The negative thing is about the prose. I have read in translation most of what Amos Oz has written, and his prose seems to me, as it comes through the translations of Nicholas de Lange, exquisitely courteous to the reader. It is free of rhetoric and tries to make its meaning as easy to understand as possible. It is like the language of Primo Levi or Alberto Moravia, as their Italian prose comes into English. The definition of great writing as an effort to strip away artistic pretension in order to reveal an underlying truth comes ultimately from Tolstoy. The main difference between Oz and such literary ancestors is that Oz's prose has more irony, much of it playful, which I take to be an aspect of modern Israeli culture. Reading Oz has always been a pleasure for me, both for the ideas and the language.
So I was surprised that the prose of this book was so rhetorical. The authors, Amos Oz and Fania Oz-Salzberger (father and daughter), wrote it in English, which is not their native language. Some of the prose is purple, suited more to the 19th century than ours:
"Trading dusty wisdoms for sweet sin and sour uncertainties. Embarking on ships to new worlds saddled with guilt and longing. Yiddish clung to their necks like a heartbroken mother."
Maybe this is tongue-in-cheek, but more likely it shows that no matter how erudite you are, it is risky to write in a foreign language. It is also a failure of editing. I particularly disliked the use of a rhetorical device called "polysyndeton" (and...and...and) which to me sounds like a poorly educated politician trying to whip up a crowd:
"This is where Heine belongs, and Sigmund Freud, and Franz Kafka, and Walter Benjamin, and Else Lasker- Schüler."
The very positive thing I want to say about this book is that the main idea, their definition of what it is to be a Jew, was a dazzling revelation to me. Judaism is not a theology, for whatever theology it has is that of a primitive tribe. It is not a race, because there is little certainty that the ancestors of someone calling himself or herself a Jew include pastoralists in the hill country of Israel and Palestine three thousand years ago. It is not an identification with a place, or with a civilization or even a belief in God, for Oz and Oz-Salzberger are atheists, but still think of themselves a Jews.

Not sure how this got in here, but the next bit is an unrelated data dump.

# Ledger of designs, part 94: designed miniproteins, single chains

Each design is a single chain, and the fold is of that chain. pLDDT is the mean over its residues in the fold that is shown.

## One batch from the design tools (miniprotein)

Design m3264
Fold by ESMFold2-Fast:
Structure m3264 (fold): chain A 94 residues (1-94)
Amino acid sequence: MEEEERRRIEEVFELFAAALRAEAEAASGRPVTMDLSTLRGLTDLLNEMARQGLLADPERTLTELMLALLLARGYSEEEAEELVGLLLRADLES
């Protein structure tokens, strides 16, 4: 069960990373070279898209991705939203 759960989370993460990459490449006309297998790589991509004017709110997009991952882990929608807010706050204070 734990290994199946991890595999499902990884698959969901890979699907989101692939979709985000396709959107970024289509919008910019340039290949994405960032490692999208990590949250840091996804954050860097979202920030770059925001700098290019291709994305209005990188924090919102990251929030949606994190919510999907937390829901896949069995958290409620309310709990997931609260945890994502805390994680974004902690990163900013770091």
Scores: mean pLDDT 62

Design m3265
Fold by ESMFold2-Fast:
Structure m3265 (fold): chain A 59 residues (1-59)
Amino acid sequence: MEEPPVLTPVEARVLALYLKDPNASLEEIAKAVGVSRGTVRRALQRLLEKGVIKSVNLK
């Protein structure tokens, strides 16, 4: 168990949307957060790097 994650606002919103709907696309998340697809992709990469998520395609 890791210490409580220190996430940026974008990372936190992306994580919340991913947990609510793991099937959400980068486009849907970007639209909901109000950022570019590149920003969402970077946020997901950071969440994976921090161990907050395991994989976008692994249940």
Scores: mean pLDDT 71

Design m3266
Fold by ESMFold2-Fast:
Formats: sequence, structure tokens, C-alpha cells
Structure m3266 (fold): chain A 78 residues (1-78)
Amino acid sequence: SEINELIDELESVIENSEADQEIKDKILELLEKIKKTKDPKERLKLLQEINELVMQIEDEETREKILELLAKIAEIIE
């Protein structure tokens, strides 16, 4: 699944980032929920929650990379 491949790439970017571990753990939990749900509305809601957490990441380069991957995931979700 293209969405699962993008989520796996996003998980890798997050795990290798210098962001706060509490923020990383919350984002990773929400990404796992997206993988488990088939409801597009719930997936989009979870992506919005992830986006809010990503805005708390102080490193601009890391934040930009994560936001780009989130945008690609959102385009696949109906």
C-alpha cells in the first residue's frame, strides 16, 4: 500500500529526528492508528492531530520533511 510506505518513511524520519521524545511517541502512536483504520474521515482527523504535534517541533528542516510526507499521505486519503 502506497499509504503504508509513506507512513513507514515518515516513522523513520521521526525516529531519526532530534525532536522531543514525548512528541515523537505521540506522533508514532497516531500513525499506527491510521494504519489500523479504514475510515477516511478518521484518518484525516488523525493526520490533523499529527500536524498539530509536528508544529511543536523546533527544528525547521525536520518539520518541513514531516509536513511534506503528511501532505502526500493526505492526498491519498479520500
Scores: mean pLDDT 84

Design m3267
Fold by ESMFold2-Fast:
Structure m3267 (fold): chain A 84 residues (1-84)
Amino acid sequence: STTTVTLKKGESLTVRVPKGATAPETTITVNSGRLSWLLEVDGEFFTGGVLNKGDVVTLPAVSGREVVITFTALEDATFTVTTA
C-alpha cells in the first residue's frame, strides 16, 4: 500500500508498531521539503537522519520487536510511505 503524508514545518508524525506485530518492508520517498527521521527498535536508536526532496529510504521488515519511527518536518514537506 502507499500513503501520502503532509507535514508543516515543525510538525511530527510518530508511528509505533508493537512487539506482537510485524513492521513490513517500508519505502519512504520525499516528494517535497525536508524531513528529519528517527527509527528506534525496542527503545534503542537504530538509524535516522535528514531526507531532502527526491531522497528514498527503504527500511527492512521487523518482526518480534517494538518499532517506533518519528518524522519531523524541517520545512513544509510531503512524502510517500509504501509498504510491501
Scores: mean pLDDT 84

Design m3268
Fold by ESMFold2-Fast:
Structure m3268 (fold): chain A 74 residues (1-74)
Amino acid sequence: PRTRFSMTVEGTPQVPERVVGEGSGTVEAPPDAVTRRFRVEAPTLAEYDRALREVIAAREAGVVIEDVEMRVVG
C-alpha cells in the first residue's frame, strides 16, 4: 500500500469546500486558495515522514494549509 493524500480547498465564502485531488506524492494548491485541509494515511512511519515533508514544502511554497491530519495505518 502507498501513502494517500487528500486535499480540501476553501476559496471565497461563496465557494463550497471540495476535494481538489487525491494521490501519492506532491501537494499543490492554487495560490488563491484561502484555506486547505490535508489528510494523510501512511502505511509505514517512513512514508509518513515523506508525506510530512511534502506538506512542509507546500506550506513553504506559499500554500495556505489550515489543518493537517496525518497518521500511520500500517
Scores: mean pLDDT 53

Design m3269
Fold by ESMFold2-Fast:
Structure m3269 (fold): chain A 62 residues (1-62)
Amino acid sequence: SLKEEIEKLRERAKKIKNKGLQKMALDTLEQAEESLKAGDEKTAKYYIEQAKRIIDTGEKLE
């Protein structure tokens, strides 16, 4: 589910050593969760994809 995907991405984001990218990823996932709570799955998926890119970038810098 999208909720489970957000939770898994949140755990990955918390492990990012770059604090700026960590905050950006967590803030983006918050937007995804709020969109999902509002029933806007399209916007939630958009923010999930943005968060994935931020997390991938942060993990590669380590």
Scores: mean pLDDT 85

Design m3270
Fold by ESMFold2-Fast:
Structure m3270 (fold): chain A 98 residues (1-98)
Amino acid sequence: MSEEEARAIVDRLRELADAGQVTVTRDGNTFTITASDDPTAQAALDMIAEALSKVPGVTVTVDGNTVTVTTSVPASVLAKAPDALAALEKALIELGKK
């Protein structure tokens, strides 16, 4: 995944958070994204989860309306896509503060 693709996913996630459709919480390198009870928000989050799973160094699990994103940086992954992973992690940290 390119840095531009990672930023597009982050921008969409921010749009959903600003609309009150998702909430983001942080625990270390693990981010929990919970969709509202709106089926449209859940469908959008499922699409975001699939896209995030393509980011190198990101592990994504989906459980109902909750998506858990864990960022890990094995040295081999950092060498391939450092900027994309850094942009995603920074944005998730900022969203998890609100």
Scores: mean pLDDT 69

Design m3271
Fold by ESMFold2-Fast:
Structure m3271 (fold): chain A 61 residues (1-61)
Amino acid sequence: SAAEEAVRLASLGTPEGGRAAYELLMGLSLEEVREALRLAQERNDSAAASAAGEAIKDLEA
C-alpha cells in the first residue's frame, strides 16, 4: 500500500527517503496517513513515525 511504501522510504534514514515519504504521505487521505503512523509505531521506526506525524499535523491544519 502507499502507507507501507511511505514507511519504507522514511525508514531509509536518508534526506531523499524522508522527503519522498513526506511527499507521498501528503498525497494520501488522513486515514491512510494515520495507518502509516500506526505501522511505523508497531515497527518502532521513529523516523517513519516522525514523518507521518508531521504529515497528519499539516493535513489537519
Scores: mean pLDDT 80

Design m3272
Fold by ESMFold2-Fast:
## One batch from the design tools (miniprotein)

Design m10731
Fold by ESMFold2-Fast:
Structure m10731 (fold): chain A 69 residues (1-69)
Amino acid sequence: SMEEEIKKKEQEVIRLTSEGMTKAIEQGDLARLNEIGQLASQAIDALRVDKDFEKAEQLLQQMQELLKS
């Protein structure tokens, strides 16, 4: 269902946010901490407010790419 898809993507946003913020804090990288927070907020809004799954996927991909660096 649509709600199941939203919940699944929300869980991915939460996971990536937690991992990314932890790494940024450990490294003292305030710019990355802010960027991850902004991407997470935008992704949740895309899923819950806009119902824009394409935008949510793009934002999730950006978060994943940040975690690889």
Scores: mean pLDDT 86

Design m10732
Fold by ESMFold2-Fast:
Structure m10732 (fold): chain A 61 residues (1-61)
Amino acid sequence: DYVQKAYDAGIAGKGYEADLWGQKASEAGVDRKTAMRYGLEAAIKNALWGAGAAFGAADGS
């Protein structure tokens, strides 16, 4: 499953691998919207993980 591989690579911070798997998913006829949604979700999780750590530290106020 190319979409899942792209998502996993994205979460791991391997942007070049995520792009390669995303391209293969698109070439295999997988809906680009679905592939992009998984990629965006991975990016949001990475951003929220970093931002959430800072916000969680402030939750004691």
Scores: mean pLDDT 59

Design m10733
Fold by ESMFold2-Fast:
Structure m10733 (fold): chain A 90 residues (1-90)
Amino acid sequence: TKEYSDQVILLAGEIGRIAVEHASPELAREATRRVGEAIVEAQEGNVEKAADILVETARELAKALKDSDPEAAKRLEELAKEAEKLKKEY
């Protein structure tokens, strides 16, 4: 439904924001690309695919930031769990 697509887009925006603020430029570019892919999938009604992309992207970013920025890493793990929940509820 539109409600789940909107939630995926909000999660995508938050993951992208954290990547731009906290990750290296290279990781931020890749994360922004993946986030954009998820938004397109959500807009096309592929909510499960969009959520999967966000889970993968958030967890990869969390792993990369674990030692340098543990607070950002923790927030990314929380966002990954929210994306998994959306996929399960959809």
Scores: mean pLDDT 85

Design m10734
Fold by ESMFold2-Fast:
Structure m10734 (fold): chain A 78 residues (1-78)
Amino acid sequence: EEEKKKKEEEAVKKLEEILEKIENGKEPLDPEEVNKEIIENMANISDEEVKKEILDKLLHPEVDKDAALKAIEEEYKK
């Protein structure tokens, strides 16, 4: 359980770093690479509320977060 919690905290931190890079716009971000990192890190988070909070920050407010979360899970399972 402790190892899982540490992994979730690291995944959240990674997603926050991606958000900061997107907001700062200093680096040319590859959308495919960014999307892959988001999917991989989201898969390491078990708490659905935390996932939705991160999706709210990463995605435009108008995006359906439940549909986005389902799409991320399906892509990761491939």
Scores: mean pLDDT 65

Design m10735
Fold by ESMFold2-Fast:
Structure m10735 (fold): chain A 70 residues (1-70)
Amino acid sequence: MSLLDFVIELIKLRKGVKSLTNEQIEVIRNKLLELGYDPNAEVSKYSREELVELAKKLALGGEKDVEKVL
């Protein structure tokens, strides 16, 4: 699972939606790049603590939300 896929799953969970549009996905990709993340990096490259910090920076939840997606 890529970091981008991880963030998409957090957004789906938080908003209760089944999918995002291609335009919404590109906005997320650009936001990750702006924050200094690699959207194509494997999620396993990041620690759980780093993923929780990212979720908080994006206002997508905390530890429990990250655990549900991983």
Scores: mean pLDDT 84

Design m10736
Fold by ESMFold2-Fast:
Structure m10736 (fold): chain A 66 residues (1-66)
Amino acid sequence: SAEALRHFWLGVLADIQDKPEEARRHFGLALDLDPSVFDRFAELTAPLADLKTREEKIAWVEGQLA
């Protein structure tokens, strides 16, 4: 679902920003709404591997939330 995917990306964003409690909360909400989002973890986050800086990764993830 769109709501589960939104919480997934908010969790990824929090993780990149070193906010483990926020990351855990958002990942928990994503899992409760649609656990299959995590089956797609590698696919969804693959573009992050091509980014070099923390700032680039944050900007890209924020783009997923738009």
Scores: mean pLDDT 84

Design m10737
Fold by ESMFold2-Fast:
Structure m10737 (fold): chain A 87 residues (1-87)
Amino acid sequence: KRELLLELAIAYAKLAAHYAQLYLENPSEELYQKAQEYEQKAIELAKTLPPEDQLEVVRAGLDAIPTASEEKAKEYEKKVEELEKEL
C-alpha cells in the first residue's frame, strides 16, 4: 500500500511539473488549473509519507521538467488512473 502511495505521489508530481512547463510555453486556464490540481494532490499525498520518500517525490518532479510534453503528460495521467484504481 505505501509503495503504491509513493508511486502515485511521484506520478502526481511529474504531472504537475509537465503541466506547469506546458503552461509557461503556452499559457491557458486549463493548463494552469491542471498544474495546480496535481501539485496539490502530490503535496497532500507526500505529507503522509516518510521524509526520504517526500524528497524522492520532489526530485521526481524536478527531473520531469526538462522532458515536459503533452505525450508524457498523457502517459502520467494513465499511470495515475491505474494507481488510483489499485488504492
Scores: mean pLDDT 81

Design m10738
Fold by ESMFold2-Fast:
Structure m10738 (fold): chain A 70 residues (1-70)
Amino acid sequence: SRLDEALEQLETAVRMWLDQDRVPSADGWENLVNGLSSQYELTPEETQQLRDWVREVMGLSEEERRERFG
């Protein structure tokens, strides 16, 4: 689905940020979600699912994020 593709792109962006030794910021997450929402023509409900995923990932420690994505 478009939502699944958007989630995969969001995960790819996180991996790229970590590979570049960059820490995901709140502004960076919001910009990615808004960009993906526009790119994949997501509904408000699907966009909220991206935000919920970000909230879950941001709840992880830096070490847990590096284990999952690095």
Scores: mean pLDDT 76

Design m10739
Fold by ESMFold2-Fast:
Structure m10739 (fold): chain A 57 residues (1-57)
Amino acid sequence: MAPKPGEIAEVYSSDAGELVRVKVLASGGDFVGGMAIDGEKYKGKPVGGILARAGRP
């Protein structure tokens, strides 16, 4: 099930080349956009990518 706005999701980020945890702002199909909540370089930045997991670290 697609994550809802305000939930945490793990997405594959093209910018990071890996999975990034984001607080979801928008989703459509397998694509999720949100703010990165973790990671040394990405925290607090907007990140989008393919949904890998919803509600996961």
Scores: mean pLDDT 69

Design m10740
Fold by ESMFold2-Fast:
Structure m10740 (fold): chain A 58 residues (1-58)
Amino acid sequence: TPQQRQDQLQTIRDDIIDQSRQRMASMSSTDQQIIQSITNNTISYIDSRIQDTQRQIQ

The core of Judaism, according to Oz and Oz-Salzberger, is a dedication to the transmission of learning from one generation to another through formal discussions about the meanings of texts. This reverence towards books, and the transmission of this reverence, defines what it means to be a Jew. The tradition of parents transmitting knowledge and texts to children, such as rabbis to students in yeshivas, is ancient, and something similar is perhaps found in most groups which call themselves Jewish. It is a common theme in Jewish literature and in Israeli film. This definition of Judaism, obvious once presented, had never occurred to me.
Other things I liked about this book were the discussion of the origin and characteristics of modern Hebrew, the origin of the word and the concept of "Judaism" (which seems to have been a 19th century German invention), the compendium of Jewish jokes at the end of the book and a variety of miscellaneous facts: that the mezuzah which Jews sometimes put on the doorways to their houses comes from Persia, and the phrase "people of the book" comes from the Quran.